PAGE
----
B.C. tribunal rules for corrections officer targeted for being Black

B.C.’s human rights tribunal has ordered the province to pay $964,197 in compensation to former corrections officer Levan Francis, who faced repeated racial slurs and physical attacks while working at the North Fraser Pretrial Centre in Port Coquitlam. (CBC/Ben Nelms)

The British Columbia Human Rights Tribunal has ordered the province to pay a former corrections officer nearly $1 million in compensation for physical attacks and racial slurs he was subjected to on the job–for being Black.

Levan Francis, who ended a 15-year career with B.C. Corrections in 2013, filed a complaint about his treatment at the North Fraser Pretrial Centre in Port Coquitlam in 2012 and has been fighting the case ever since.

in a ruling delivered last Thursday, he was vindicated and compensated for his long-running battle that cost him $250,000 and placed severe strain on his mental health.

Francis, who is now 51, suffers from severe depression and PTSD, much of it attributed to his treatment at work.

The North Fraser Pretrial Centre in Port Coquitlam, B.C. where Levan Francis worked is pictured on July 10, 2008. (THE CANADIAN PRESS/Darryl Dyck)

“I was good at my job. I treated inmates like human beings. But things just kept coming at me and it comes to the point when I’d had enough,” Francis told the CBC’s Yvette Brend in an interview last summer. 

In final submissions before the Human Rights Tribune, his lawyer, Larry Smeets, said that Francis was labelled a “rat” and had a “target on his back” once he complained.

Prior to last week’s ruling, Smeets told Brend that even if Francis won his case before the tribunal he could be “left vindicated, but broke,” after losing his 15-year career, his family home–and his mental health.

Following the ruling, Smeets called the decision “precedent setting.”

“I think it’s a commentary on the justice system in British Columbia,” Sheets told CBC News. 

After filing his human rights complaint in October 2012, Francis suffered severe depression and PTSD. (CBC/Ben Nelms)

Despite the tribunal’s ruling, Francis said he was disappointed the people who he believes were responsible have not been held to account, and that he feels let down that the province fought his case for so long.

“This is just a huge, disturbing mess,” Francis told Brend.

“I am so disappointed in Canada. I’m not a lawyer, but I do have a brain. I’ve done nothing wrong.

“The B.C. government needs to make me whole,” he said. “They’ve tried so hard to derail this.”

In last week’s ruling, the tribunal’s chair, Diana Juricevic, ordered the province to pay Francis $264,060 for past loss of earnings, $431,601 for future loss of earnings and $65,881 for pension loss.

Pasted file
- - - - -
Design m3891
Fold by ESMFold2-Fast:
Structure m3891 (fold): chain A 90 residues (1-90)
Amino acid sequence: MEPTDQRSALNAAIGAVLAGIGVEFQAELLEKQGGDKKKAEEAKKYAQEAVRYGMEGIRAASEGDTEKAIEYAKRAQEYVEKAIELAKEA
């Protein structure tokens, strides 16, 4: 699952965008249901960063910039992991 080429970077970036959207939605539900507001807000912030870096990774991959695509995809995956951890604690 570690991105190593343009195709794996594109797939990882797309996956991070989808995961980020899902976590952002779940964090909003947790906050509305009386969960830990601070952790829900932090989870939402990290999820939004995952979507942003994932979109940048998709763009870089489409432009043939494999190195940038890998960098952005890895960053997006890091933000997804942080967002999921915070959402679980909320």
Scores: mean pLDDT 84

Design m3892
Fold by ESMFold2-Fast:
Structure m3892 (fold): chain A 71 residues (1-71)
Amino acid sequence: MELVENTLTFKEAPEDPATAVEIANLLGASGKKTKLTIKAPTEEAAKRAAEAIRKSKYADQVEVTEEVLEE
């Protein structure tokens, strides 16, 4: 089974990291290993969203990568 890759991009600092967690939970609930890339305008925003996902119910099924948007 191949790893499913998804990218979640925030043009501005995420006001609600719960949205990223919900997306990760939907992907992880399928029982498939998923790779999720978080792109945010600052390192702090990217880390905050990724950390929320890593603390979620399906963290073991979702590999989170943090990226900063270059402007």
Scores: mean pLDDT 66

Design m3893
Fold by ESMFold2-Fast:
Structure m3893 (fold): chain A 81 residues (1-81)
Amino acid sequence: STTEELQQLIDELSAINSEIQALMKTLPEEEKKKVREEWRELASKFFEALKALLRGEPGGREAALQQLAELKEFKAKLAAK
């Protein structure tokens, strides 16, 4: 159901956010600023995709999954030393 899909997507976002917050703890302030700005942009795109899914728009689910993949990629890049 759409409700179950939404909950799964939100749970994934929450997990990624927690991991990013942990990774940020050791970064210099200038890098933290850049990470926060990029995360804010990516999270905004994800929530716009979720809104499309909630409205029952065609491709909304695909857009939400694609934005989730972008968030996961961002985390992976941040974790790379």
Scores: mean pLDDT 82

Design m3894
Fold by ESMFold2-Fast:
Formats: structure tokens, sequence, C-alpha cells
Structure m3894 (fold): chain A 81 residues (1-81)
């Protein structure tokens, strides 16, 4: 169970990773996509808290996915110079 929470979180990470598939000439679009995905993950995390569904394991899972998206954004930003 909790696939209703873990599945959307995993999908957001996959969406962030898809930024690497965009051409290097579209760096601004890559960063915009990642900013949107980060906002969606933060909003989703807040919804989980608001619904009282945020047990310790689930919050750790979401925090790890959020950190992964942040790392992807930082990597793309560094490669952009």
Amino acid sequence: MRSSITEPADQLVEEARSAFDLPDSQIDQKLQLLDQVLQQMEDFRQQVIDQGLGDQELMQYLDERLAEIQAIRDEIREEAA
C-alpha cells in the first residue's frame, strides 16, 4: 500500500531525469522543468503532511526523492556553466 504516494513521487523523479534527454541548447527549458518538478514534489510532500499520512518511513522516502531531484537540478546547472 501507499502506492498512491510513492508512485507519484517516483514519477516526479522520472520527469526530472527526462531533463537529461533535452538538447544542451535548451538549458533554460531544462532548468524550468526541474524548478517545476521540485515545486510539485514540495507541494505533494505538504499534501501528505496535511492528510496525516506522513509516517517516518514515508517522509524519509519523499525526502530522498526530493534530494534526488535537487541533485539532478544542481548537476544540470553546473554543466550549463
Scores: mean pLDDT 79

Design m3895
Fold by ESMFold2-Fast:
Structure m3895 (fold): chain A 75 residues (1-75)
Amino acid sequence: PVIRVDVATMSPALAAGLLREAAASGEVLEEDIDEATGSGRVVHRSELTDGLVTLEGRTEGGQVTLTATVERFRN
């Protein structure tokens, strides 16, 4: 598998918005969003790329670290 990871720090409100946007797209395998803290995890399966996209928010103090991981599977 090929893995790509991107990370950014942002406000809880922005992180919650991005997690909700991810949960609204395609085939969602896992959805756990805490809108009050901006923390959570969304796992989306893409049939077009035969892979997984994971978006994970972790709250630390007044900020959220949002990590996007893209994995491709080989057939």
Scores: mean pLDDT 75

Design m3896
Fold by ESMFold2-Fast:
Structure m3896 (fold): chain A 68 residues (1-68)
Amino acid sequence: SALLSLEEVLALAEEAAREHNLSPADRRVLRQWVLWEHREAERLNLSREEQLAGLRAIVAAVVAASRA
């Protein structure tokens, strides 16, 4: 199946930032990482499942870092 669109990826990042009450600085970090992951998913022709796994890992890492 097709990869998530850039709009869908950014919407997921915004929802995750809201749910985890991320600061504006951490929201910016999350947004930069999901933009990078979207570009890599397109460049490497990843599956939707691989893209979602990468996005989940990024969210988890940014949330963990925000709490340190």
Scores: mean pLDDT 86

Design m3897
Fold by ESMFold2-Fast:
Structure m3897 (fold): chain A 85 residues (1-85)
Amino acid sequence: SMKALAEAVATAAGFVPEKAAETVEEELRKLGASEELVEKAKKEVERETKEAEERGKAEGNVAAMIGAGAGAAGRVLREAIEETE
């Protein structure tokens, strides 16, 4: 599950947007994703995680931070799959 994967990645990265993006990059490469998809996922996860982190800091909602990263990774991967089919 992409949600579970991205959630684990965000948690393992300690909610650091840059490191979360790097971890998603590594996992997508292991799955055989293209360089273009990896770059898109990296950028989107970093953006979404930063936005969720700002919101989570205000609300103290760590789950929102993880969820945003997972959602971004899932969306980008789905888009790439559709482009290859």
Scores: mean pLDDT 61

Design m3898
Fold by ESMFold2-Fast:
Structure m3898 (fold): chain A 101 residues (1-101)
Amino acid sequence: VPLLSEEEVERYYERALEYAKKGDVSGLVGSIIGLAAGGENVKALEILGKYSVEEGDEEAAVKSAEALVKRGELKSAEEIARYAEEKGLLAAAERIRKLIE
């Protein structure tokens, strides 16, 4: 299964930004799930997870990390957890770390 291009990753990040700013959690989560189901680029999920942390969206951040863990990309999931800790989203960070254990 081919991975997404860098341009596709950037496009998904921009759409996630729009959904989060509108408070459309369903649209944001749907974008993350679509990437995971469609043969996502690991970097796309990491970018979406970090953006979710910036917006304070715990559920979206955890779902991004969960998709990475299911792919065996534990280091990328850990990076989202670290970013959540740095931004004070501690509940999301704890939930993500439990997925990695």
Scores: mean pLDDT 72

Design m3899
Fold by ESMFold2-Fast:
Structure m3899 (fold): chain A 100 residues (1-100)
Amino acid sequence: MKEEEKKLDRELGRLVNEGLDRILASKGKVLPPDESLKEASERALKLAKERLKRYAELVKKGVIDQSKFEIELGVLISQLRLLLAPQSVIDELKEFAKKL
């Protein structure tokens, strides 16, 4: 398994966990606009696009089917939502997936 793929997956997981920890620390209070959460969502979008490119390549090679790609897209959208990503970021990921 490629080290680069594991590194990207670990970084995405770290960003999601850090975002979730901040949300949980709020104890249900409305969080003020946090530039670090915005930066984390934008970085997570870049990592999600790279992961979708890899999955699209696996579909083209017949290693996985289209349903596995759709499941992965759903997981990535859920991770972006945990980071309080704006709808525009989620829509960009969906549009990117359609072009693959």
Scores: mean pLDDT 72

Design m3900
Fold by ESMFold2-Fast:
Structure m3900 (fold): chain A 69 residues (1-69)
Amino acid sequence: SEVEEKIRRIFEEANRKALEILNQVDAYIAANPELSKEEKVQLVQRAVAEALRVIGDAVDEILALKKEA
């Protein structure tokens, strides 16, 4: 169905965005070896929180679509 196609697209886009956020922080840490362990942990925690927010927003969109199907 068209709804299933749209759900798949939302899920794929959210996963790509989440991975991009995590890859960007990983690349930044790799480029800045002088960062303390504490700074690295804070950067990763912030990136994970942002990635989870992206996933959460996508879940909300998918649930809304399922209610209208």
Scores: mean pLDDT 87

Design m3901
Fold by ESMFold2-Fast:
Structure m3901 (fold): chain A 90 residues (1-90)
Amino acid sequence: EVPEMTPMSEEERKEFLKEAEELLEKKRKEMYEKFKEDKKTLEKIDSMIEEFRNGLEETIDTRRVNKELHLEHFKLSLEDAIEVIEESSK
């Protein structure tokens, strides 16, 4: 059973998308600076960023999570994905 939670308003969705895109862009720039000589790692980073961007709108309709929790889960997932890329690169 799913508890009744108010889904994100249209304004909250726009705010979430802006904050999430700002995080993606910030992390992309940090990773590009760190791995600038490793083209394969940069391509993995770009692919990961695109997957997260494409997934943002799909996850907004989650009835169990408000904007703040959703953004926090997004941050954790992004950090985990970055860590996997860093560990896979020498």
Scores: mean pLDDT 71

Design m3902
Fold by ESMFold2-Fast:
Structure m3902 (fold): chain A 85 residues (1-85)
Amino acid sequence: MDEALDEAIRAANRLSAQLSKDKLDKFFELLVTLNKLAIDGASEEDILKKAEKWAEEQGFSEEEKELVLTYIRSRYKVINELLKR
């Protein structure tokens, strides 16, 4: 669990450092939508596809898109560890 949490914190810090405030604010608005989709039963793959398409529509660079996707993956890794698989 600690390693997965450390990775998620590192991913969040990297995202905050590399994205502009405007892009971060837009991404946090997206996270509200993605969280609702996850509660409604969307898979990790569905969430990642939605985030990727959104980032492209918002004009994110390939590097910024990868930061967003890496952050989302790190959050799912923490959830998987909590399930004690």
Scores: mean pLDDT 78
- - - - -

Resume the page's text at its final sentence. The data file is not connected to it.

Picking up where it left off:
She also ordered more than $26,000 in expenses and disbursements, as well as the unprecedented $176,000 in compensation for injury to his dignity, feelings and self-respect.

Francis said the retribution he faced on the job after he filed the complaint speaks to systemic racism. (CBC/Ben Nelms)

Francis’s lawyers had asked for about $1.2 million while the province had offered about $370,000 for lost income and other expenses, including $20-$35,000 for injury to dignity, feelings and self respect.

In her decision, Juricevic said Francis faced attacks and retaliation after he filed his complaint and was labelled with stereotypes such as “lazy Black man,” despite an excellent work record.

“I accept Francis’s evidence that his mental illness has been prolonged and worsened by the events that occurred after he left the workplace,” she said. 

After filing his human rights complaint in October 2012, Francis suffered severe depression and post-traumatic stress disorder.

The $250,000 he spent fighting the case is not compensable under the B.C. Human Rights Code, but Brend reports that Smeets is exploring “whether there is any potential civil remedy based on a failure in B.C. laws.”

On July 4, 2019, the tribunal issued a 106-page decision deeming his former workplace “poisonous” and his complaint justified.

In an email to CBC News, the Ministry of Public Safety and Solicitor General said it is reviewing the decision.

“Racism has no place in our province–or within the B.C. Public Service, which includes B.C. Corrections. All people deserve to feel safe and respected in their workplace, and government encourages employees who experience or witness discrimination to speak up. As a government we recognize our duty to set an example and we know there is significant work to do to address broader issues of systemic racism,” the email read.

With files from CBC News (Yvette Brend), The Canadian Press

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